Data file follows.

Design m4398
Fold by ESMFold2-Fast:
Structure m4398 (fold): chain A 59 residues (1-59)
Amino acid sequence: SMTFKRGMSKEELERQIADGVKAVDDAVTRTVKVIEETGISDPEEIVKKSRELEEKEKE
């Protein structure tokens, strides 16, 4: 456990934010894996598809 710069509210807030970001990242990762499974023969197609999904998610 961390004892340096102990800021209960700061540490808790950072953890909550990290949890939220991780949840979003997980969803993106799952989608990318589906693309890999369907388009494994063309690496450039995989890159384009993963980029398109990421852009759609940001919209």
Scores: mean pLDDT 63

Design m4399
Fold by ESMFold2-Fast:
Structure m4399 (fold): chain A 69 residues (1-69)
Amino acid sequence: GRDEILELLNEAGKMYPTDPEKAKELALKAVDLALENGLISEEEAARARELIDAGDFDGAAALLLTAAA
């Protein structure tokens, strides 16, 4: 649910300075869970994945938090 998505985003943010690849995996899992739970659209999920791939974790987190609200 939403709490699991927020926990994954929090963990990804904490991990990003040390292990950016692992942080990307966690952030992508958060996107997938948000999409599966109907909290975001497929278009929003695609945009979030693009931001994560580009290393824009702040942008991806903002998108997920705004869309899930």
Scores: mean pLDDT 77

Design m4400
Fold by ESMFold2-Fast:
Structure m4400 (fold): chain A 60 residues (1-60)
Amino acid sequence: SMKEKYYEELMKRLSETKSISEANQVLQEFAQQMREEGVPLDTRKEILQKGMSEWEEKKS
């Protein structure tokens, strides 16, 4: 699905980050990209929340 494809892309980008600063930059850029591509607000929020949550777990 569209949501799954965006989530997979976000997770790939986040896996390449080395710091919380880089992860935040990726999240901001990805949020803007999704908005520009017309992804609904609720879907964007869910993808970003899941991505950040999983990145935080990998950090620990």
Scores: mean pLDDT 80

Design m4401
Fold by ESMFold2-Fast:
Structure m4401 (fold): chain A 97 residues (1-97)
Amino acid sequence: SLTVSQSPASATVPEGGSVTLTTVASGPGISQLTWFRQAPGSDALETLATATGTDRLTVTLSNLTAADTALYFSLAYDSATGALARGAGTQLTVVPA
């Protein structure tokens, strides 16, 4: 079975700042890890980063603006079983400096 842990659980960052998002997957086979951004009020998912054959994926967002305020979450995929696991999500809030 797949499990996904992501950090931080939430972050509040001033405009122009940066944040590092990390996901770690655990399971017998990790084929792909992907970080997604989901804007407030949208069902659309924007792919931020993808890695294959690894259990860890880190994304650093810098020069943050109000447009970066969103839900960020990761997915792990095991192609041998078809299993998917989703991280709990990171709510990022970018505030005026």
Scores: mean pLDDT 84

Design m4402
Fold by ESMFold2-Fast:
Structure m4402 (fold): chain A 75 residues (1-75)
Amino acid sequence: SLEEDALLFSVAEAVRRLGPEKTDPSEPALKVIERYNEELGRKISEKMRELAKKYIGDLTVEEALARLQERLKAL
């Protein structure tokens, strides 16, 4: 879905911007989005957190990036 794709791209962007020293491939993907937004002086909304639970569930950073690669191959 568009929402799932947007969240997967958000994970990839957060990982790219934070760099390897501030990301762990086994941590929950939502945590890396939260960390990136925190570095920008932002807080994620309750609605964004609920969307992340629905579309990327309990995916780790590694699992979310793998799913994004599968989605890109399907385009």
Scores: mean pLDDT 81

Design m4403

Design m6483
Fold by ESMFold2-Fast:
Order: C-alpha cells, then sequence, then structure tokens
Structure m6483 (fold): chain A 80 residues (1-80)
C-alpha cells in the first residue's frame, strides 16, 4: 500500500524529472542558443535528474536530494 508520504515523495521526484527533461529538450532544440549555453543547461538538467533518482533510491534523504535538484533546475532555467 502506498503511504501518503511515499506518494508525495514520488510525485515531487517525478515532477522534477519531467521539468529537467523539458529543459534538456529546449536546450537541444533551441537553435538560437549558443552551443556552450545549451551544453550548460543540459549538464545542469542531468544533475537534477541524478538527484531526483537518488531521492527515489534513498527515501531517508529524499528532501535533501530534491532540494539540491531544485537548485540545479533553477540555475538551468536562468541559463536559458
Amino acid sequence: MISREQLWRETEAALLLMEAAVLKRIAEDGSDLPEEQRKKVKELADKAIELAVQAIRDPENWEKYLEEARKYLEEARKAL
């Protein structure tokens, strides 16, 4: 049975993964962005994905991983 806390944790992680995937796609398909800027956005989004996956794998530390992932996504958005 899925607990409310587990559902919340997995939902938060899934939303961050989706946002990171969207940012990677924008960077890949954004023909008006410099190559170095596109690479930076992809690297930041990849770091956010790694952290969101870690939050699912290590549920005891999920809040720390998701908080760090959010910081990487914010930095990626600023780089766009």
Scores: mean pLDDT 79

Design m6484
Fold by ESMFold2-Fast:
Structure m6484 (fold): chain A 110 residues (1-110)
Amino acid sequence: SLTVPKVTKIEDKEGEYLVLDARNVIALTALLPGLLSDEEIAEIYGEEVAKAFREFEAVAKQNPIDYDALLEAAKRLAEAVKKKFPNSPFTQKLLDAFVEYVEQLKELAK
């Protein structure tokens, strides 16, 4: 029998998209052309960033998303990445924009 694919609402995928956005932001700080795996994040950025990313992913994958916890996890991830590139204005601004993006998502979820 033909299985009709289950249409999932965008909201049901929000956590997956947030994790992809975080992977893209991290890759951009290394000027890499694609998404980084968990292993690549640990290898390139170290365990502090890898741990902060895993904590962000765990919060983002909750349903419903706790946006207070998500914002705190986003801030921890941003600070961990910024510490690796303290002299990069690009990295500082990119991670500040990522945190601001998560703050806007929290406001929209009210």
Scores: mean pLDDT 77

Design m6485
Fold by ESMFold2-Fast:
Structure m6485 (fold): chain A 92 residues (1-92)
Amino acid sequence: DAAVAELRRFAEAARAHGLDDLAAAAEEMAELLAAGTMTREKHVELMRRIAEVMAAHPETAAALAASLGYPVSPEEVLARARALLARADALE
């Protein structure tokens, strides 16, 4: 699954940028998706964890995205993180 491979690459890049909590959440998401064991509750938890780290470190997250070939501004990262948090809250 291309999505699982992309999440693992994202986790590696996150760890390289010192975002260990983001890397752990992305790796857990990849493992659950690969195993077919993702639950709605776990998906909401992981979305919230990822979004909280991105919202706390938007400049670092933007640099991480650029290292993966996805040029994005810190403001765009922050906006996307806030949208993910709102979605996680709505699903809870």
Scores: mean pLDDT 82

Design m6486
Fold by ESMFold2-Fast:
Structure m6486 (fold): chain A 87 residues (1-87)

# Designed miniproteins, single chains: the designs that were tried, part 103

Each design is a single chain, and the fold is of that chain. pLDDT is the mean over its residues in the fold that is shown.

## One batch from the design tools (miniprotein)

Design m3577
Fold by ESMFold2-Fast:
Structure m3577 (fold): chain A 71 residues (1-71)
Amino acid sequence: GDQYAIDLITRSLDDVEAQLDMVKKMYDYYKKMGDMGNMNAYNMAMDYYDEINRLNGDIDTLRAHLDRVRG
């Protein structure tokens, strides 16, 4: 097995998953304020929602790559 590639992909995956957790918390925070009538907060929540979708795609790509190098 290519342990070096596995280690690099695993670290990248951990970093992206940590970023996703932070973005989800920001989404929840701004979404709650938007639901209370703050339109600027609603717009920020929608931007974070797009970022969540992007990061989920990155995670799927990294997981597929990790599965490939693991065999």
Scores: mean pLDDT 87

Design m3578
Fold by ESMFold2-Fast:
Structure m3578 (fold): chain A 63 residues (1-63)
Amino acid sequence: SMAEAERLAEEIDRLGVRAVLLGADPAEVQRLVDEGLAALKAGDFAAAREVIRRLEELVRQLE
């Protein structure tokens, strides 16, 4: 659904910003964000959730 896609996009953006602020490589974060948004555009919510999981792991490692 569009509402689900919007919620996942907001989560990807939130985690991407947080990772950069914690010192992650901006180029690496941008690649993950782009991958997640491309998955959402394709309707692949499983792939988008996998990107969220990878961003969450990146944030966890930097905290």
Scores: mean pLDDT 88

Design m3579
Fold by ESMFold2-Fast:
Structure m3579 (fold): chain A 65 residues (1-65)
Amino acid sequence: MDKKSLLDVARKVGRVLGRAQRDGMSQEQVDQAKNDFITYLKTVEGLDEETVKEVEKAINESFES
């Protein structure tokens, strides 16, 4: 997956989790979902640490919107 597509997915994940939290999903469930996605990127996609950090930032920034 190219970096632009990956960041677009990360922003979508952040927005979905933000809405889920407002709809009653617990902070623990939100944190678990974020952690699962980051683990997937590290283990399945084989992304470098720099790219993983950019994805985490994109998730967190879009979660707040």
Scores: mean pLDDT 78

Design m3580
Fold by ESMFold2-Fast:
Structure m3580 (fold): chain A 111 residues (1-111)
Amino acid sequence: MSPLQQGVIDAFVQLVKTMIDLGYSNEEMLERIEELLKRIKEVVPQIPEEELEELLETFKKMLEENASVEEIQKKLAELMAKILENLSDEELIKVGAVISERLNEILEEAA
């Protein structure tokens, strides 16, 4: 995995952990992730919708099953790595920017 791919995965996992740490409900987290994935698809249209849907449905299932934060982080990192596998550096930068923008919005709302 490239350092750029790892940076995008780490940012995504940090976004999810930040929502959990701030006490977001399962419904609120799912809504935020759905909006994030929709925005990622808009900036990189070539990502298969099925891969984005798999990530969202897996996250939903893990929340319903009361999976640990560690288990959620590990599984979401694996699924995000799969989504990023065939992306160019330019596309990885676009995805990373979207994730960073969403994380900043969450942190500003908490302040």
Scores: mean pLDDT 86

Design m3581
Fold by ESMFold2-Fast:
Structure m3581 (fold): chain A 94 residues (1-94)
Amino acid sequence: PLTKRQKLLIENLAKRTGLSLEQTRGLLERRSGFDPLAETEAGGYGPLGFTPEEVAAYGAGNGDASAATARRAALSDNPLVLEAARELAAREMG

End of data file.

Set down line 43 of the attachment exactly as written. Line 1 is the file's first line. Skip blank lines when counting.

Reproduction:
Amino acid sequence: SLTVPKVTKIEDKEGEYLVLDARNVIALTALLPGLLSDEEIAEIYGEEVAKAFREFEAVAKQNPIDYDALLEAAKRLAEAVKKKFPNSPFTQKLLDAFVEYVEQLKELAK